An act of Congress creates Yosemite National Park, home of such natural wonders as Half Dome and the giant sequoia trees. Environmental trailblazer John Muir (1838-1914) and his colleagues campaigned for the congressional action, which was signed into law by President Benjamin Harrison and paved the way for generations of hikers, campers and nature lovers, along with countless “Don’t Feed the Bears” signs.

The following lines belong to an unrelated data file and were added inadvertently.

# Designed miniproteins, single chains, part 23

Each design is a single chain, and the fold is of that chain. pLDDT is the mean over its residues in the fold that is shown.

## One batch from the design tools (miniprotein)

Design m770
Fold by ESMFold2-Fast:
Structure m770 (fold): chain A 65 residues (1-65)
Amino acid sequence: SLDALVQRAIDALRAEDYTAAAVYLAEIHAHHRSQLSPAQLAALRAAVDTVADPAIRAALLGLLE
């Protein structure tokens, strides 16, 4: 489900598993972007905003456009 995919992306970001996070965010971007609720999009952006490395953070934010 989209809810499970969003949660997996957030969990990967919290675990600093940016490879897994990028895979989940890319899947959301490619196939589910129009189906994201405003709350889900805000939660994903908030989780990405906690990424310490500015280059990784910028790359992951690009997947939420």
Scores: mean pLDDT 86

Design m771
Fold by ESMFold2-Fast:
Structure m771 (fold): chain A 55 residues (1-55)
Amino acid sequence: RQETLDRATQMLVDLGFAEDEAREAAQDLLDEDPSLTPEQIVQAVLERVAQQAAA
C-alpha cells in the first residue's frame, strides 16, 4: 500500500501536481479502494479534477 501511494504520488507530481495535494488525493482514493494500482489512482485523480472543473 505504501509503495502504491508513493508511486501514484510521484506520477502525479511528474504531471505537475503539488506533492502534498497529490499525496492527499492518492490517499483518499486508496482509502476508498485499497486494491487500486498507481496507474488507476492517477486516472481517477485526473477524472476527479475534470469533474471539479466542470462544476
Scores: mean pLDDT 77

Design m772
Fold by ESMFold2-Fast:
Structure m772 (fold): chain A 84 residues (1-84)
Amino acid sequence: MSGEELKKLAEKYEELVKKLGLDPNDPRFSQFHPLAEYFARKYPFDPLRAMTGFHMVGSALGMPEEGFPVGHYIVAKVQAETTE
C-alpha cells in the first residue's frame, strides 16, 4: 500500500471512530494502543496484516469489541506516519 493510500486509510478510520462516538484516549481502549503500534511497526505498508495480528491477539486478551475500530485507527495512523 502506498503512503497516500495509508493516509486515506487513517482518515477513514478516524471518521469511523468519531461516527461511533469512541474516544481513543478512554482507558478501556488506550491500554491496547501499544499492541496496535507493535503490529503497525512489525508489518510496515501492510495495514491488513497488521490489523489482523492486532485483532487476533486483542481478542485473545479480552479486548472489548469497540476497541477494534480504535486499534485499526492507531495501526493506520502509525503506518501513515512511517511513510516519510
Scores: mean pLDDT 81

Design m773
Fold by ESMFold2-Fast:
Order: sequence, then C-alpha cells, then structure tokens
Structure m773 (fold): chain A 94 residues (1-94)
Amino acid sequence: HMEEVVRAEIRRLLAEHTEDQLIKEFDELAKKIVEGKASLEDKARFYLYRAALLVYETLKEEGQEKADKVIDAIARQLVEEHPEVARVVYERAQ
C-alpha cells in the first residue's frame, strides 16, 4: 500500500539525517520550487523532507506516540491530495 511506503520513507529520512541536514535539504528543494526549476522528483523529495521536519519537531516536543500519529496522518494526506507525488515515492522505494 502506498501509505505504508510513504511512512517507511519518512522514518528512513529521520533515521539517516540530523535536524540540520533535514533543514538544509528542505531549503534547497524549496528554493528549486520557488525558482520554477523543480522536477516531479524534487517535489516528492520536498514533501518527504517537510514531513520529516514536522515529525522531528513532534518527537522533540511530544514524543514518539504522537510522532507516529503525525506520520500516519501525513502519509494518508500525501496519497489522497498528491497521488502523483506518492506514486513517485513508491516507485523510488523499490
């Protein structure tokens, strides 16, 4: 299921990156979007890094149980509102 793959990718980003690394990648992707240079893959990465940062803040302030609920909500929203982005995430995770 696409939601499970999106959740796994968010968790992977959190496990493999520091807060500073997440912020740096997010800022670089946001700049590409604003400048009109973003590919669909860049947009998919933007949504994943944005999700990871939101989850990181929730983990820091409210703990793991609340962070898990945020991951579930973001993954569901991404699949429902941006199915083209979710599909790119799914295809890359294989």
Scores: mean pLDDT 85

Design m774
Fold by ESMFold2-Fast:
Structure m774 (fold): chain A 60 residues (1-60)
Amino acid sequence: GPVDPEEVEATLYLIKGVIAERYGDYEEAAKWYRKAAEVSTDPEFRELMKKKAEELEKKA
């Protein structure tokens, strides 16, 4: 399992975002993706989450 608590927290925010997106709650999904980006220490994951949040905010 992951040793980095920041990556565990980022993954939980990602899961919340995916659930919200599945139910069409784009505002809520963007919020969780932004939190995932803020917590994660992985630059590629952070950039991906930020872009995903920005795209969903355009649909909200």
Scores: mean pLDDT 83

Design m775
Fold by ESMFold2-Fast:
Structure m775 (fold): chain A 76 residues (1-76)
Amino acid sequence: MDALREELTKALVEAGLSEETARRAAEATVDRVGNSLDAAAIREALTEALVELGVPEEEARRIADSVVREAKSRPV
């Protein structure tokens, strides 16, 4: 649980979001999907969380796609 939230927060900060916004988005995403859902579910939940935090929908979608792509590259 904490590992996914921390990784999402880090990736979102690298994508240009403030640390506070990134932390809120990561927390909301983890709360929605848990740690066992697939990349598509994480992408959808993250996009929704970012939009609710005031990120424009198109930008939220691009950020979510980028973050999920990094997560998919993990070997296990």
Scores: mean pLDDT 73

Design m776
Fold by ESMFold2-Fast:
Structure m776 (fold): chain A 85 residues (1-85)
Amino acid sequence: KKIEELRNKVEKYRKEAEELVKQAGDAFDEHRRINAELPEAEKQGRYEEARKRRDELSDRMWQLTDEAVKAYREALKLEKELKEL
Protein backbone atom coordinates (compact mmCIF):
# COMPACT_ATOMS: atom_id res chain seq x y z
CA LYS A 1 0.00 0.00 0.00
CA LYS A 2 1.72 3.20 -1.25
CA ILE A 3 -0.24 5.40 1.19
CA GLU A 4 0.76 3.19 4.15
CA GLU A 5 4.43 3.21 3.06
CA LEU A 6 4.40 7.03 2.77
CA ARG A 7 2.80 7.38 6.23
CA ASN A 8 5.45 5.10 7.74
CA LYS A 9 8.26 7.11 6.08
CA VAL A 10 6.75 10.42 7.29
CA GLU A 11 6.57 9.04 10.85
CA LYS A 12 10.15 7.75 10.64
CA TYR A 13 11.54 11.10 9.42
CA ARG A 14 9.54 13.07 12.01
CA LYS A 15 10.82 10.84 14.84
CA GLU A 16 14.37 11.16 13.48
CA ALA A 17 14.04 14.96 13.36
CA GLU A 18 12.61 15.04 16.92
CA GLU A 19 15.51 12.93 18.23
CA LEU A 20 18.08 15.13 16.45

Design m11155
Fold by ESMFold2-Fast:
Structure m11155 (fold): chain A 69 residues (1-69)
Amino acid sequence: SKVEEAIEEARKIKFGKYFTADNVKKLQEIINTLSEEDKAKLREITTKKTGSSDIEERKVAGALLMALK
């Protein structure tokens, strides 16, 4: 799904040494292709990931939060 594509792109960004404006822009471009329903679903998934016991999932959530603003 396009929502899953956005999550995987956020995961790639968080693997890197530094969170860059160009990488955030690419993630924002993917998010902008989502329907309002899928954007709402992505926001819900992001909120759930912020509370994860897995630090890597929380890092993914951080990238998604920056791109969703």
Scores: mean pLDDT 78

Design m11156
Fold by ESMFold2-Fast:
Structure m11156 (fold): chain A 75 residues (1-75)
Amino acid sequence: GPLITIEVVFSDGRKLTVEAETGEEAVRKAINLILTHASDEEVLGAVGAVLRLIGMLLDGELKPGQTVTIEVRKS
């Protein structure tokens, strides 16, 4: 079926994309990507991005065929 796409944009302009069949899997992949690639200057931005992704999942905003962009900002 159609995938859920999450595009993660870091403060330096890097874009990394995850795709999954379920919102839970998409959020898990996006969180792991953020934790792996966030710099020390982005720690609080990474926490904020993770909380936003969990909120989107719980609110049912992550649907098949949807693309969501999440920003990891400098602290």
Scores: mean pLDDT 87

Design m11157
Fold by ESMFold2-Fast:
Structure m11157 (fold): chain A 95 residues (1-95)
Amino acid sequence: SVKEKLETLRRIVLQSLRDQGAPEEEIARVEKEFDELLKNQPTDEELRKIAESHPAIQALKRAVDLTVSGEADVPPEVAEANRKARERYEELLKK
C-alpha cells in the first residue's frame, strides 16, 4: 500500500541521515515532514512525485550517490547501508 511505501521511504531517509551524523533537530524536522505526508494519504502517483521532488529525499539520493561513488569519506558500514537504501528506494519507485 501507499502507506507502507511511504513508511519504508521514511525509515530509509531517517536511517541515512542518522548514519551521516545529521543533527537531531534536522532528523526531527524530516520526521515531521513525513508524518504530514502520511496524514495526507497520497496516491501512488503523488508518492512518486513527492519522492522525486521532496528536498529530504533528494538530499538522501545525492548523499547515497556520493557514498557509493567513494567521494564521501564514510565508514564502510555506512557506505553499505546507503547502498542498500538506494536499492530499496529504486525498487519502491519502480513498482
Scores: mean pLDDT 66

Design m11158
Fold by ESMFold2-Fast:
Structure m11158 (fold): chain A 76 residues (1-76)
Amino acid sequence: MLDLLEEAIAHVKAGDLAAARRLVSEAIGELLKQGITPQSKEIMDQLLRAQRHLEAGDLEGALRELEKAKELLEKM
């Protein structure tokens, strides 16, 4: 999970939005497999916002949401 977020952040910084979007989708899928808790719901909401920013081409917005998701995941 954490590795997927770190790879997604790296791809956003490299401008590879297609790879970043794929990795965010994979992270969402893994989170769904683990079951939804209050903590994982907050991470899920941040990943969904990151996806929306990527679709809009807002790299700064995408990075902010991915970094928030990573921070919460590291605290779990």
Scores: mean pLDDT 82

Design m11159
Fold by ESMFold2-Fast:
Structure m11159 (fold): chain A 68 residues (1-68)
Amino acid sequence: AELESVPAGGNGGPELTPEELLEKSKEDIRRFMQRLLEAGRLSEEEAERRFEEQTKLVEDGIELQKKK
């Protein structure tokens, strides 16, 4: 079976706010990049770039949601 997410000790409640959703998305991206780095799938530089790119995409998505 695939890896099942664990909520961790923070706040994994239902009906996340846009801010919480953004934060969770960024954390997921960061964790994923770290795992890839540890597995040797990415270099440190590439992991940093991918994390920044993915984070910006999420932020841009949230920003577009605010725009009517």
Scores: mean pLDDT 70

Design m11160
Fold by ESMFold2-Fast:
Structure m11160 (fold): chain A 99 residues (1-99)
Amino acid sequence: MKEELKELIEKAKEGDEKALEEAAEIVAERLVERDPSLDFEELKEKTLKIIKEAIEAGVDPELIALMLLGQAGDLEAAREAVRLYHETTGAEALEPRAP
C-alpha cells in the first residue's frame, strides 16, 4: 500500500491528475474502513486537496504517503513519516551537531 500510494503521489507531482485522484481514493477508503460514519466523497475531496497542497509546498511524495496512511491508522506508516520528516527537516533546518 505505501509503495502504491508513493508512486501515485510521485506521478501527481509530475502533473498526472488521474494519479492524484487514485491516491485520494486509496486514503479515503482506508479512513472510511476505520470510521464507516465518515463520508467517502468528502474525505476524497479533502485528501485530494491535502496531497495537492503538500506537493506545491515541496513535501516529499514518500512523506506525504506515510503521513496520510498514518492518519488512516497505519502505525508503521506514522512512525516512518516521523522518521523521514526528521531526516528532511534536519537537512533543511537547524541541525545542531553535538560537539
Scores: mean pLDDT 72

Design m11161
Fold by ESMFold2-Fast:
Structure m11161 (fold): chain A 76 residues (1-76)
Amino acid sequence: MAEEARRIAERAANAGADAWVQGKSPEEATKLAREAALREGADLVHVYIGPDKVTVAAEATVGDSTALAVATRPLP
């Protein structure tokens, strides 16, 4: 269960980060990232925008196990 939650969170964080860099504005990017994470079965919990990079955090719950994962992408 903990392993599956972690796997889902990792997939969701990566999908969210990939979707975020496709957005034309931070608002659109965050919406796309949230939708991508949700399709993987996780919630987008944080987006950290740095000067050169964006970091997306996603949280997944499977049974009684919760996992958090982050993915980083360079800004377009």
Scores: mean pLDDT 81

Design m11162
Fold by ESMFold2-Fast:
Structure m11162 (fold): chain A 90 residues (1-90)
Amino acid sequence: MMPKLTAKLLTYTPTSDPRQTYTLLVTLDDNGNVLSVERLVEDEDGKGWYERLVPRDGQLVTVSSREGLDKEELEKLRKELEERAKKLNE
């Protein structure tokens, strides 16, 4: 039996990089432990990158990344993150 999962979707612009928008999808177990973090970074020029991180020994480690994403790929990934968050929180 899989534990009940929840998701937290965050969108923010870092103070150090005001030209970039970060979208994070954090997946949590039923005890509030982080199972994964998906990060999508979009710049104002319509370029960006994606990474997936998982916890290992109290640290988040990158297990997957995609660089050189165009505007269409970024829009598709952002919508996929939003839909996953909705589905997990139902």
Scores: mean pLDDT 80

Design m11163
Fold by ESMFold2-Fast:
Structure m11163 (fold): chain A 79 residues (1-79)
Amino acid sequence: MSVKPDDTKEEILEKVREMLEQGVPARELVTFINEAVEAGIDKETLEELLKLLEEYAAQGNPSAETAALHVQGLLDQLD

Native Americans were the main residents of the Yosemite Valley, located in California’s Sierra Nevada mountain range, until the 1849 gold rush brought thousands of non-Indian miners and settlers to the region. In 1864, to ward off further commercial exploitation, conservationists convinced President Abraham Lincoln to declare Yosemite Valley and the Mariposa Grove of giant sequoias a public trust of California. This marked the first time the U.S. government protected land for public enjoyment and it laid the foundation for the establishment of the national and state park systems. Yellowstone became America’s first national park in 1872.